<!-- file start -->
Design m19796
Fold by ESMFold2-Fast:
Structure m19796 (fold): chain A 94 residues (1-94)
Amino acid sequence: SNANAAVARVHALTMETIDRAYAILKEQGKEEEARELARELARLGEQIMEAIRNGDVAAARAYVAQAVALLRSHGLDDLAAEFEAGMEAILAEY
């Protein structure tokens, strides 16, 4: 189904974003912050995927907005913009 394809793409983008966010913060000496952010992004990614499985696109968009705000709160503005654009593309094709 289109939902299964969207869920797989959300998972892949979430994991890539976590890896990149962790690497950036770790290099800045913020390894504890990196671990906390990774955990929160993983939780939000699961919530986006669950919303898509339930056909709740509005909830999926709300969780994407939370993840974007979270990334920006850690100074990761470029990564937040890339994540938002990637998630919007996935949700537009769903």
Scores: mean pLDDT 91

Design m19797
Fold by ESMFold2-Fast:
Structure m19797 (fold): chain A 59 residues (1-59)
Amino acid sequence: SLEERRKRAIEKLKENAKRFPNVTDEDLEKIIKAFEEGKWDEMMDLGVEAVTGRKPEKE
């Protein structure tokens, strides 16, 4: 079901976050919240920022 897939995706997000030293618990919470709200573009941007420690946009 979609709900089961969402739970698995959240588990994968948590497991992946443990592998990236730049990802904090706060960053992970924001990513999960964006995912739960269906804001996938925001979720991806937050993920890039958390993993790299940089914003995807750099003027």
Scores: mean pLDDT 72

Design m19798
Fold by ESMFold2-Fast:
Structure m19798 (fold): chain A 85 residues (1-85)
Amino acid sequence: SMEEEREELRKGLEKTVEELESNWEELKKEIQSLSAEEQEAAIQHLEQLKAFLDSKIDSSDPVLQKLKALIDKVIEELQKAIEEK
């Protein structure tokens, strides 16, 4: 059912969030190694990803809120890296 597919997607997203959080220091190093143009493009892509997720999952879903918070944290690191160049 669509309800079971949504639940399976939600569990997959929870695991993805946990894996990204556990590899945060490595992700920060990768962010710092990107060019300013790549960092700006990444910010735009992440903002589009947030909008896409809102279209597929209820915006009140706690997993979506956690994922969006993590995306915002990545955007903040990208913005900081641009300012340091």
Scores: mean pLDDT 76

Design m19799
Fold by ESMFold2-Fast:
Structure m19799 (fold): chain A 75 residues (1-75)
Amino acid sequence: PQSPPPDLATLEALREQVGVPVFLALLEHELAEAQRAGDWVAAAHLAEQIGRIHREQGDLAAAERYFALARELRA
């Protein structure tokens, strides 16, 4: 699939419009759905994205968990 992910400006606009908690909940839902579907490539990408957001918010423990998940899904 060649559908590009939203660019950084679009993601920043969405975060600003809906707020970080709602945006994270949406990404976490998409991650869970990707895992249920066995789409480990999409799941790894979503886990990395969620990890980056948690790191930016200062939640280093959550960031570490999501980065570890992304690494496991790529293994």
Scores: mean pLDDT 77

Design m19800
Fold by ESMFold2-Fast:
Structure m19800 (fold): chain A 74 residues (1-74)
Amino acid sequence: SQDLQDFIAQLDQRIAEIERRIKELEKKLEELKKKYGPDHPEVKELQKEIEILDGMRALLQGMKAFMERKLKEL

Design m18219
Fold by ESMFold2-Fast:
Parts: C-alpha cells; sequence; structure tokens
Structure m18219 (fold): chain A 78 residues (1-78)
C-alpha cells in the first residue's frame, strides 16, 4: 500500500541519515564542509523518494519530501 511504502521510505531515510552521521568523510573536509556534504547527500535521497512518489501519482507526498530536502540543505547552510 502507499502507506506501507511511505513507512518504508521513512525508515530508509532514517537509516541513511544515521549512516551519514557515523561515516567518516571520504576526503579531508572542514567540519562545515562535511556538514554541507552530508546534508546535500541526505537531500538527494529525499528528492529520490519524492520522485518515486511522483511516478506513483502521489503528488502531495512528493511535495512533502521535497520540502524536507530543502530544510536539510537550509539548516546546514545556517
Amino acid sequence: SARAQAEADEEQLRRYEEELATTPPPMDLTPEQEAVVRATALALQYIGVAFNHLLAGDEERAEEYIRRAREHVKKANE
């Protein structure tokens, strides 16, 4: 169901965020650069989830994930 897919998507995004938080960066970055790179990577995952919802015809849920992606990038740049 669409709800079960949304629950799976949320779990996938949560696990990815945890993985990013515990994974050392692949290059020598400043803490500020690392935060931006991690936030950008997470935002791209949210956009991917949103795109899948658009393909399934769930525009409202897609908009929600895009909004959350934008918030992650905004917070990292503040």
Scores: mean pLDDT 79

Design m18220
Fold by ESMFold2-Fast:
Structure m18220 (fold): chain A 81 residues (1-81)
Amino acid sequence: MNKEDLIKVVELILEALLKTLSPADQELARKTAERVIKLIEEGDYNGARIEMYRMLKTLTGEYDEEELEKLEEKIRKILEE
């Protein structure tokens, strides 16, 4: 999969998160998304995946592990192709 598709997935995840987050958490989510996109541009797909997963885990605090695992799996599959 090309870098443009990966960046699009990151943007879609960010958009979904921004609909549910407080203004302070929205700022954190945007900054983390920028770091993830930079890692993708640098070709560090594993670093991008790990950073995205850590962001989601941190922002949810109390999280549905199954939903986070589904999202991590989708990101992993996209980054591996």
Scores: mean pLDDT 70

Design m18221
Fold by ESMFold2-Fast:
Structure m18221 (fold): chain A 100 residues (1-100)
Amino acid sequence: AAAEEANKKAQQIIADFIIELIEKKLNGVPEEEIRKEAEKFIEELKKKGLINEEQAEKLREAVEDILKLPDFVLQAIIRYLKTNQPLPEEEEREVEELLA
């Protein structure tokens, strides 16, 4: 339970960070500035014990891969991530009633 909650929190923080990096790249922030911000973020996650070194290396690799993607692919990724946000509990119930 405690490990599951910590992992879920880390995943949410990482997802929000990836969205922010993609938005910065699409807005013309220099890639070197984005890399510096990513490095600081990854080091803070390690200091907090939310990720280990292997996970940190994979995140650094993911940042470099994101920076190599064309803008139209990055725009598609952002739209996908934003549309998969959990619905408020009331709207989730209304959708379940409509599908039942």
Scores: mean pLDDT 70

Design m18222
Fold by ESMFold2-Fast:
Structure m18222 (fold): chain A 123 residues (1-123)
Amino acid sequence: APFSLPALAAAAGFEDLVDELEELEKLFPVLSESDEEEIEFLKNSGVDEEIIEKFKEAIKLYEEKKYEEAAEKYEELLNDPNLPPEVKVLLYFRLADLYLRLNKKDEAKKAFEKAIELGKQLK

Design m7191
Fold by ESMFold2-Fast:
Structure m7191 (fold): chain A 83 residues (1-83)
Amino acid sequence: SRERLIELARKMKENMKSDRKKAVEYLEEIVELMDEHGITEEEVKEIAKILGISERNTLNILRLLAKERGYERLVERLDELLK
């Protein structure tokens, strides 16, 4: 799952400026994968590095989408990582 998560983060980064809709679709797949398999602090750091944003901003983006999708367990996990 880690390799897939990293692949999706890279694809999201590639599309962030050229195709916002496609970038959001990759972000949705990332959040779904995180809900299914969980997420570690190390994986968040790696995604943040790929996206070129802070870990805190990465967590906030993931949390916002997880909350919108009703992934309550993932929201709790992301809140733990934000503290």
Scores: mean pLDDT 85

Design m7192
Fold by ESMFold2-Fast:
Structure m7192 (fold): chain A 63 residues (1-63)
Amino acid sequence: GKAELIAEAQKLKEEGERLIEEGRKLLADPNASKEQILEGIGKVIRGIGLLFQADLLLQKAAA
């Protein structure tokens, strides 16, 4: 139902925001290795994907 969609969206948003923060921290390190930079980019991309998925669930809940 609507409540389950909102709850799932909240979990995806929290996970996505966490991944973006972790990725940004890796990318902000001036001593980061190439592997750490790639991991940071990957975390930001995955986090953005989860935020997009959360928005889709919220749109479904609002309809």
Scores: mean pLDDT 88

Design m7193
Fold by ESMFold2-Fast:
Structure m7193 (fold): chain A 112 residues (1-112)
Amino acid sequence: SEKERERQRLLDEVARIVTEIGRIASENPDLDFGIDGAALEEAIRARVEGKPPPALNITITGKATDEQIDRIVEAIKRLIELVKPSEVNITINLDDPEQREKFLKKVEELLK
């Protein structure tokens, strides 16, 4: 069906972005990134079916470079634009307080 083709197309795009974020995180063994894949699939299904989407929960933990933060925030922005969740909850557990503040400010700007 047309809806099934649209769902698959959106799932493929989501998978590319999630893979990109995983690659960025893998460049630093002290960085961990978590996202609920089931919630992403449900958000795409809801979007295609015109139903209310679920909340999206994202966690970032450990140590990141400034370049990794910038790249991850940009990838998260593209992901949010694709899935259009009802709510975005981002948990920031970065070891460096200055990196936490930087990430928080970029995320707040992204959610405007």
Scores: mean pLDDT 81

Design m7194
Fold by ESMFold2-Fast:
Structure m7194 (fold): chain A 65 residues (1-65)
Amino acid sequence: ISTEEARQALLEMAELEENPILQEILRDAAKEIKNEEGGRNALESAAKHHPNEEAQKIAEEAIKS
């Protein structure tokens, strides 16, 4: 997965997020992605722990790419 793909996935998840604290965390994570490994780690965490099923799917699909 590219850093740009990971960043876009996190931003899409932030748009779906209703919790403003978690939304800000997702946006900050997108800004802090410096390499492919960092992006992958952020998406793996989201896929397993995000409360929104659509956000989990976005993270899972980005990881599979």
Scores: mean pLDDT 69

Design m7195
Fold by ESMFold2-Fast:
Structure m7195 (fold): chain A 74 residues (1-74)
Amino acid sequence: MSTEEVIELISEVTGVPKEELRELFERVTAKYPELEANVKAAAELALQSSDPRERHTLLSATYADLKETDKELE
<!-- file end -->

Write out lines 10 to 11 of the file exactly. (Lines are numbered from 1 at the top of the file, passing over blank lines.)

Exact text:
Amino acid sequence: SLEERRKRAIEKLKENAKRFPNVTDEDLEKIIKAFEEGKWDEMMDLGVEAVTGRKPEKE
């Protein structure tokens, strides 16, 4: 079901976050919240920022 897939995706997000030293618990919470709200573009941007420690946009 979609709900089961969402739970698995959240588990994968948590497991992946443990592998990236730049990802904090706060960053992970924001990513999960964006995912739960269906804001996938925001979720991806937050993920890039958390993993790299940089914003995807750099003027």